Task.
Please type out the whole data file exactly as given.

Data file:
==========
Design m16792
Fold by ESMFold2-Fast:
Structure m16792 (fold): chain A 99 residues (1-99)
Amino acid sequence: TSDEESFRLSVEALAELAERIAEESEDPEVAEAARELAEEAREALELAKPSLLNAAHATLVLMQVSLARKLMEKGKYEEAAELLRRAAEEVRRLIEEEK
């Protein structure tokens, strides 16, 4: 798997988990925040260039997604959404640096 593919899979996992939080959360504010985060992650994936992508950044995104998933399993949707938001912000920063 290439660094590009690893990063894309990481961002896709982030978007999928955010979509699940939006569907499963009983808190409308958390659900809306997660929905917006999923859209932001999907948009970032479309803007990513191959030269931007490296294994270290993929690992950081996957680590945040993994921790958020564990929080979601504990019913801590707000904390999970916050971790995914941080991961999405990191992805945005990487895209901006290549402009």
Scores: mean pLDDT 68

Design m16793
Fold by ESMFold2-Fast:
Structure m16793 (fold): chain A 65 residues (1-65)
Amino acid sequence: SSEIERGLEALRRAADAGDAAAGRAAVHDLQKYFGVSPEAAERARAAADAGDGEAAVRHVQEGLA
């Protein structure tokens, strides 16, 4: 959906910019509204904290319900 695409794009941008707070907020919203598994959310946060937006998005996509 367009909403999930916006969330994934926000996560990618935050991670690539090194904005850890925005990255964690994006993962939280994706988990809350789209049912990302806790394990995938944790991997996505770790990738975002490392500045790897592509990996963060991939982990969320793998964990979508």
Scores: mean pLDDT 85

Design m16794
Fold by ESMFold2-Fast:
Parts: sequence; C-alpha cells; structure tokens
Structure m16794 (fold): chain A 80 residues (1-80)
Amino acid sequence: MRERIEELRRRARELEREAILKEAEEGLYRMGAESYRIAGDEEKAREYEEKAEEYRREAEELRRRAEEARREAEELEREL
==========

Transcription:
Design m16792
Fold by ESMFold2-Fast:
Structure m16792 (fold): chain A 99 residues (1-99)
Amino acid sequence: TSDEESFRLSVEALAELAERIAEESEDPEVAEAARELAEEAREALELAKPSLLNAAHATLVLMQVSLARKLMEKGKYEEAAELLRRAAEEVRRLIEEEK
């Protein structure tokens, strides 16, 4: 798997988990925040260039997604959404640096 593919899979996992939080959360504010985060992650994936992508950044995104998933399993949707938001912000920063 290439660094590009690893990063894309990481961002896709982030978007999928955010979509699940939006569907499963009983808190409308958390659900809306997660929905917006999923859209932001999907948009970032479309803007990513191959030269931007490296294994270290993929690992950081996957680590945040993994921790958020564990929080979601504990019913801590707000904390999970916050971790995914941080991961999405990191992805945005990487895209901006290549402009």
Scores: mean pLDDT 68

Design m16793
Fold by ESMFold2-Fast:
Structure m16793 (fold): chain A 65 residues (1-65)
Amino acid sequence: SSEIERGLEALRRAADAGDAAAGRAAVHDLQKYFGVSPEAAERARAAADAGDGEAAVRHVQEGLA
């Protein structure tokens, strides 16, 4: 959906910019509204904290319900 695409794009941008707070907020919203598994959310946060937006998005996509 367009909403999930916006969330994934926000996560990618935050991670690539090194904005850890925005990255964690994006993962939280994706988990809350789209049912990302806790394990995938944790991997996505770790990738975002490392500045790897592509990996963060991939982990969320793998964990979508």
Scores: mean pLDDT 85

Design m16794
Fold by ESMFold2-Fast:
Parts: sequence; C-alpha cells; structure tokens
Structure m16794 (fold): chain A 80 residues (1-80)
Amino acid sequence: MRERIEELRRRARELEREAILKEAEEGLYRMGAESYRIAGDEEKAREYEEKAEEYRREAEELRRRAEEARREAEELEREL